Did you know that the average person spends between $90 and $100 on Valentine's remembrances? Candy, jewelry, cards, flowers, swimsuit issues.
Yes, this is the week that Sports Illustrated's famous (or is that infamous?) swimsuit issue hits the stands.
I've never really understood the whole swimsuit issue thing. Oh yes, the magazine may argue that the girls are athletic. But, all I see is long hair, white teeth, big boobs, skinny thighs and a whole lot of flesh. In many cases, the swimsuit is hardly there. In some, it isn't there at all. A fairly recent titillating trend is to paint the suit onto the model's naked body. Suffice it to say, there's not much left to the imagination.
What's the connection? In theory, I guess, a woman could wear one of the featured suits to swim or surf or play beach volleyball.
In reality, the magazine is catering to its audience. After a 51 week diet of hard-core sports coverage, they deserve a little dessert.
Still, the timing seems off. Not only because it's a holiday that's supposed to be about romance and true love. But really, isn't there something a little more sports-oriented going on this week? Like maybe ... oh, I don't know ... the Winter Olympics. Hello???
So, as usual, when I heard that this year's cover was being unveiled, I rolled my eyes. (My teenage daughter has taught me well.) "Which bodacious blonde will be the cover model?" The anticipation was killing me.
Turns out, the cover nodded to another male fantasy: the threesome. Not one, not two, but a trilogy of girls and their — shall we say — admirable assets on display for all to see. The models look about 19 years old. What else is new?
I was about to get on with my work when a sidebar story caught my eye. 'Turns out there's an alternate cover and an alternate, much older, cover girl.
Wow, why didn't anyone think of this before? It's a match made in heaven.
Barbie is plastic
Barbie is busty
Barbie has an unrealistic (dare I say unnatural) figure
And under all that blonde hair, Barbie's head is empty
Actually, Barbie as swimsuit model is a lot more believable than most of the other careers Mattel has given her over the decades. Maybe I'm guilty of reverse discrimination. Surely it's possible that a woman who looked like Barbie could be a pilot or a veterinarian, a racecar driver or an astronaut. To underscore this point, Mattel asserts that Barbie herself is the victim of a massive smear campaign, focusing on her looks. The theme is "unapologetic," as in "I'm Barbie and I ain't gonna apologize for my 52 inch chest and 14 inch waist anymore, dammit!" Get over yourself, girl.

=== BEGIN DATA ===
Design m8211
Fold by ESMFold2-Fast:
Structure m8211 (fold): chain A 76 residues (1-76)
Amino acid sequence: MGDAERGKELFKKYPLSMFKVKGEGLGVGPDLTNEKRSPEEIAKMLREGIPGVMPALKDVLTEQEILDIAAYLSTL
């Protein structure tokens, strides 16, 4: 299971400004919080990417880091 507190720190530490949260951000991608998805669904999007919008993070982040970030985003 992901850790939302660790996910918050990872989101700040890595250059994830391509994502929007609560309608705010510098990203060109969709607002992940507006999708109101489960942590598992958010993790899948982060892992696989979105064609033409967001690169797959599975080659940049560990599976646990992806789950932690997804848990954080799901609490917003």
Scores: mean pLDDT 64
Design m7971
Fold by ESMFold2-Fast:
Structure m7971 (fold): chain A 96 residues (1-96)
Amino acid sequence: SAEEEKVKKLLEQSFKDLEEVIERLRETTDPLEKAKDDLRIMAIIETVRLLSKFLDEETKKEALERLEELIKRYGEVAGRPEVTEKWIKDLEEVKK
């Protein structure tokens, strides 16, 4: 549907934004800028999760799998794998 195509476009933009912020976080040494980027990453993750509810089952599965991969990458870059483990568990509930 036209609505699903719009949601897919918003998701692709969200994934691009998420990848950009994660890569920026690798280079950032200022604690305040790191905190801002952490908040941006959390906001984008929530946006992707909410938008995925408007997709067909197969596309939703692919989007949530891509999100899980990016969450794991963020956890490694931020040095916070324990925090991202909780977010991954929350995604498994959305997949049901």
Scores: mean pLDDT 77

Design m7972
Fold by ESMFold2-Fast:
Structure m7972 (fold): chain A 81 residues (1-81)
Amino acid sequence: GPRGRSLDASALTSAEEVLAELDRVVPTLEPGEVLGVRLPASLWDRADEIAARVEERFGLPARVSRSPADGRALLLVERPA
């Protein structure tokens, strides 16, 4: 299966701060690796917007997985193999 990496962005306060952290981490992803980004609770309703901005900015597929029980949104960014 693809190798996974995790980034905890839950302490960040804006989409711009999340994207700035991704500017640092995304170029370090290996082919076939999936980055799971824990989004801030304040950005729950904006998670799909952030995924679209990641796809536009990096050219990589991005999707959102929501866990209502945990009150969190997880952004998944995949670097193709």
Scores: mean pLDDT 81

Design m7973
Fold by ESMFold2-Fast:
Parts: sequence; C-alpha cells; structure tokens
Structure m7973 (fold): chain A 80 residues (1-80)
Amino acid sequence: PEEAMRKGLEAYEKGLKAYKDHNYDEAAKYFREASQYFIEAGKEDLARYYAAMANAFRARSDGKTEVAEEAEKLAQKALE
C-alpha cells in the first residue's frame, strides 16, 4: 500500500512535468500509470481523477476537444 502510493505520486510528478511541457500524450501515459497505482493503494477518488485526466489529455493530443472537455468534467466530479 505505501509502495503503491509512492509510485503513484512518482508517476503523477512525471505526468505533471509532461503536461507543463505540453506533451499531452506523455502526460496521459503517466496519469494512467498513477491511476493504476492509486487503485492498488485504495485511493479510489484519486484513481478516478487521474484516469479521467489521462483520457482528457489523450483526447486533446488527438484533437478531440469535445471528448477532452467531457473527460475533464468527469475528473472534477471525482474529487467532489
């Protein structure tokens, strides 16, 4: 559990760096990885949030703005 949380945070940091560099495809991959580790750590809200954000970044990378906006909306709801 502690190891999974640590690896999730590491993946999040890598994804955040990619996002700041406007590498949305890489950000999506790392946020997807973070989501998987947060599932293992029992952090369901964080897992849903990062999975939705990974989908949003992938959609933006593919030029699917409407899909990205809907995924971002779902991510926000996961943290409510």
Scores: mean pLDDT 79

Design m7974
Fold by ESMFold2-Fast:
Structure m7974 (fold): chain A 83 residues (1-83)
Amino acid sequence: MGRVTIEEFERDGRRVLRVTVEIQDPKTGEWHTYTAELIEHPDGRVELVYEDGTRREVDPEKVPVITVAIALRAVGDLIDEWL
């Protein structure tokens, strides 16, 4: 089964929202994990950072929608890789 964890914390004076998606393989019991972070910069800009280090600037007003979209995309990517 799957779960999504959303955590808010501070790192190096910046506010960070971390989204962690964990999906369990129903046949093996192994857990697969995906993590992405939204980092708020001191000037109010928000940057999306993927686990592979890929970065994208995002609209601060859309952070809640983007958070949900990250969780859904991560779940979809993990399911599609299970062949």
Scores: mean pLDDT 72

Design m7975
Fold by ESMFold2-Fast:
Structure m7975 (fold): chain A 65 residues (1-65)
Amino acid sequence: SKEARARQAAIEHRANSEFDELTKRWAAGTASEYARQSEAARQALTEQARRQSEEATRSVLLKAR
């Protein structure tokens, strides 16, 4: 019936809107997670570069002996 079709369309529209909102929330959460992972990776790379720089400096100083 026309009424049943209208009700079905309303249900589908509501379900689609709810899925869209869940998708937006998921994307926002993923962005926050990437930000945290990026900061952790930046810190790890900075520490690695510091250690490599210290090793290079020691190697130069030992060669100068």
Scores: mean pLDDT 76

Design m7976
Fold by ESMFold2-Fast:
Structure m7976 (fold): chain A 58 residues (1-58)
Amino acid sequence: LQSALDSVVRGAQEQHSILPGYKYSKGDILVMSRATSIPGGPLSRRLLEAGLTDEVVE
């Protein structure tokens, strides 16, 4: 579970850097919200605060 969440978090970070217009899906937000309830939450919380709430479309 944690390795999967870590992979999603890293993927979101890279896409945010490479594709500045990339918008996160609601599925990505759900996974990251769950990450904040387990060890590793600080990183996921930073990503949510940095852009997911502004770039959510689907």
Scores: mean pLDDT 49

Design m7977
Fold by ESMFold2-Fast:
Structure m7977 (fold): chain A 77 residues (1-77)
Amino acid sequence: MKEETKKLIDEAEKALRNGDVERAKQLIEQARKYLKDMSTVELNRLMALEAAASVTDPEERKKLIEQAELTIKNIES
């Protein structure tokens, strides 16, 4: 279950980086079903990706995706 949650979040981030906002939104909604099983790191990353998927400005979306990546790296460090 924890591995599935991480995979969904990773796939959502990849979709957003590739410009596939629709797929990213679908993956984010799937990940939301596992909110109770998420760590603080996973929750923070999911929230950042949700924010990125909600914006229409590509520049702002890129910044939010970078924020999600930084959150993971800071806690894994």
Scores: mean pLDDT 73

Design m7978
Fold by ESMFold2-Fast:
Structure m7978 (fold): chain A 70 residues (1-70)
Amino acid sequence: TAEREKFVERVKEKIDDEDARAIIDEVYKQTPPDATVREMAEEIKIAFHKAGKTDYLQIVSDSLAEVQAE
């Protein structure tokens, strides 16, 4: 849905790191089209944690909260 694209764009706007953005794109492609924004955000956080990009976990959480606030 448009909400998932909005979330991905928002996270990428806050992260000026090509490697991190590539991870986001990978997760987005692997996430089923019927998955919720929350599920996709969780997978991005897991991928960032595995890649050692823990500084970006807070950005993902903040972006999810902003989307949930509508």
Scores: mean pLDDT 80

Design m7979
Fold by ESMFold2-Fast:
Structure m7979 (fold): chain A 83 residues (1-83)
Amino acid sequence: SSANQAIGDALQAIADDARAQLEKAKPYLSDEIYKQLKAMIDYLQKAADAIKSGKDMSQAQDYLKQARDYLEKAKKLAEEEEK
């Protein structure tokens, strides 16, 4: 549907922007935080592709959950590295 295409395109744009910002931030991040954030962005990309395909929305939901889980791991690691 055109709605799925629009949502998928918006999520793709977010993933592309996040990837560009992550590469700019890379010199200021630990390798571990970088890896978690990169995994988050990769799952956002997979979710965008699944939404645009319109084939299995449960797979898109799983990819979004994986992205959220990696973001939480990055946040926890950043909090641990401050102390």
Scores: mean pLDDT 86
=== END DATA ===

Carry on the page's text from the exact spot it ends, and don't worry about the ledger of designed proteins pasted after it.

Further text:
Oh. Sorry, Barbie.
Don't get me wrong. We had plenty of Barbies in the house when my daughter was little. She called them "Mommies" (and yes, some tiny little part of me was flattered by that, although I did find out later that she needed glasses). The smaller Kelly dolls were the "Sweeties."
Well, as you can imagine, people take their swimsuit issues (and their $3 billion fashion dolls) very seriously.
According to Mattel, the clever cover celebrates "some of the world's most famous swimsuit legends — like Barbie — who have gone on to break boundaries, build empires and shape culture ... Barbie is in great company with the other legends, such as (actress-models) Heidi Klum and Christie Brinkley, to name a few."
As if this explanation weren't enough, Sports Illustrated adds that Barbie fits in with the swimsuit issues' "message of empowerment" for women.
Now I get it. The swimsuit issue is all about empowering women. I thought it was all about arousing men. My bad.
I'm a feminist by anybody's estimation. I could get all hot and bothered about body image and objectification. But, I'm not going to. Barbie and the Sports Illustrated swimsuit issue; the combination doesn't bother me. I actually think it's funny.
Or a little bit redundant.
If you enjoyed this post, I invite you to order a copy of my new book Lovin' the Alien at www.lovinthealien.com.